Breath of Fresh Air: Feature Articles
Chapter 42: Does asthma ever turn into emphysema?
Asthma does not turn into emphysema. Although asthma and emphysema share some properties in common, including cough, shortness of breath, chest tightness, and difficulty emptying air from the lungs, they are different diseases. Emphysema is almost always due to cigarette smoking; asthma is more closely linked to allergies. Asthma most often begins in childhood; emphysema is rare before middle age. Symptoms of asthma come and go; shortness of breath on exertion is permanent in emphysema. Persons with well-controlled asthma can have a normal lung capacity; impaired lung function in emphysema never goes away.
Cigarette smoking damages the lungs in a very specific way in emphysema. It causes the lungs to lose their elasticity or springiness. When we breathe out, we rely on the springiness of the lungs to force the air out of our chest. In emphysema, some of that springiness has been destroyed by damage to the walls of the air sacs, and the lungs empty slowly no matter how forcefully we might use our muscles to force the air out. With continued cigarette smoking, the lungs slowly deteriorate. Over a period of many years, patients may become totally disabled. No medication can restore the normal springiness of the lungs.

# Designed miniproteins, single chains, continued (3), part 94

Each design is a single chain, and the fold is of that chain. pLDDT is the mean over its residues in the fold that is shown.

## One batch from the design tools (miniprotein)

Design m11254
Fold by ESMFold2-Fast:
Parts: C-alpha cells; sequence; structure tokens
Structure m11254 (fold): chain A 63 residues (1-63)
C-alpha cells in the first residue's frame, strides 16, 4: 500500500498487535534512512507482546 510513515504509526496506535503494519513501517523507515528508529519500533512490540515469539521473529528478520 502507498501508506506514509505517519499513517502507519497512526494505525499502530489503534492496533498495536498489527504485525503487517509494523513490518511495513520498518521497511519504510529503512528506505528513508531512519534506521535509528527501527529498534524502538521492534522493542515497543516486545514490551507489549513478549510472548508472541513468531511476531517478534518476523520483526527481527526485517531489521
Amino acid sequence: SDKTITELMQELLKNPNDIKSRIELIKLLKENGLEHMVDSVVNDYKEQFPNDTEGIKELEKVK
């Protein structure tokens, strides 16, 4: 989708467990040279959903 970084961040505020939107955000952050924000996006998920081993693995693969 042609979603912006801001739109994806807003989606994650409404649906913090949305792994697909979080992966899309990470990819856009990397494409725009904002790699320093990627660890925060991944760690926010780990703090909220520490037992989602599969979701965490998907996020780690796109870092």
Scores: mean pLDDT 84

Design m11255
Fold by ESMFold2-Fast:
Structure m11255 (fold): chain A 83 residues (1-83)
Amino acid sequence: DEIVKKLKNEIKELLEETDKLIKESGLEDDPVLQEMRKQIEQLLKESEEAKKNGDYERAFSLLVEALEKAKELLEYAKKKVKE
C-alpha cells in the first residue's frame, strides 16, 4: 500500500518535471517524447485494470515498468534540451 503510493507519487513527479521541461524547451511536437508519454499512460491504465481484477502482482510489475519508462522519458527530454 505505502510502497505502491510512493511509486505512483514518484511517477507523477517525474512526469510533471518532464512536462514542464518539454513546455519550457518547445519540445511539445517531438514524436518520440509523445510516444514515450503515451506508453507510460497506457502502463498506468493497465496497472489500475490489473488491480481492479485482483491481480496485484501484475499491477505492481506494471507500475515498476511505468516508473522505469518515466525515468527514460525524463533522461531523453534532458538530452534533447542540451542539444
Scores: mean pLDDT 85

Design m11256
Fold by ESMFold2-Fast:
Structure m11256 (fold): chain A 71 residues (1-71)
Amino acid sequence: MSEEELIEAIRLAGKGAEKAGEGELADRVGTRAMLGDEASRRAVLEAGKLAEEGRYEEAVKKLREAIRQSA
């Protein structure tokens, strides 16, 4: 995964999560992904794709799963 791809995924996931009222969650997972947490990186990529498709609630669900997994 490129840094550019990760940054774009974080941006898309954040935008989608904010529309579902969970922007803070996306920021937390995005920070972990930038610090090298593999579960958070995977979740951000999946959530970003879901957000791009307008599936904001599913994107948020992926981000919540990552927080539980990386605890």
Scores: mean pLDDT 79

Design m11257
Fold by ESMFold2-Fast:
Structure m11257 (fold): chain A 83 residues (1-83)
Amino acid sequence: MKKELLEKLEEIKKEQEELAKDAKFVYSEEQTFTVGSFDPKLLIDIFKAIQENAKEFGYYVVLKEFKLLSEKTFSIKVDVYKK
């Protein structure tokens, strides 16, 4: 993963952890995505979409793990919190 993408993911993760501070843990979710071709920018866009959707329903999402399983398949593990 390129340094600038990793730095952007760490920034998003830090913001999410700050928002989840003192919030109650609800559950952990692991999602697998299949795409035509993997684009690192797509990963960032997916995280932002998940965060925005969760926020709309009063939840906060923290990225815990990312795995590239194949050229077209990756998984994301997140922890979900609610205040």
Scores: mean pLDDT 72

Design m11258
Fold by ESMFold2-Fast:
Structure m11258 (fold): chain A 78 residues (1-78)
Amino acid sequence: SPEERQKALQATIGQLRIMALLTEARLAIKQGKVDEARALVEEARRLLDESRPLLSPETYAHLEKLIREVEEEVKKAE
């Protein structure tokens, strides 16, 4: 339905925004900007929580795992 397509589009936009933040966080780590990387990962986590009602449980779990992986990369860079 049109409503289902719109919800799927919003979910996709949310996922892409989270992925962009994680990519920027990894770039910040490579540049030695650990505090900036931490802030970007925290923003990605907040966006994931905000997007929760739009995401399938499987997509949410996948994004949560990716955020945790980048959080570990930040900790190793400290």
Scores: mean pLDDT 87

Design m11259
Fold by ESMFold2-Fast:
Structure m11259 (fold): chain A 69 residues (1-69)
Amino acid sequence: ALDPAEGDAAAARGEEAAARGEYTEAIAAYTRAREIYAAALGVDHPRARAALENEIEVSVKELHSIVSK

Asthma is different. In asthma, emptying air from the lungs may become difficult when the bronchial tubes are narrowed by contraction of the bronchial muscles and allergic swelling of the walls of the air passageways. Medications are available to treat both of these problems. Bronchodilators cause the muscles to relax, and anti-inflammatory medications reduce the swelling of the tubes. With treatment, the bronchial tubes are restored to their normal size, and air can empty from the lungs at a normal rate.
There are occasional exceptions to this rule. In some persons with asthma, inflammation of the bronchial tubes can lead to permanent scarring, causing an irreversible narrowing of the tubes. When this happens, the lungs empty slowly even when the patient feels well and his or her asthma is quiet. The patient may experience shortness of breath on exertion every day. Although not emphysema, asthma with permanent scarring of the bronchial tubes begins to look in many ways similar to emphysema.
We do not know why on occasion some persons with asthma develop permanent scarring and narrowing of their bronchial tubes (sometimes referred to as "airway remodeling"). The problem seems to occur more often in patients with severe disease that has been inadequately treated over many years. Good asthma control, regular treatment with anti-inflammatory medication, and monitoring of one’s lung function over time appear to be the best preventive measures. And, of course, don’t smoke cigarettes!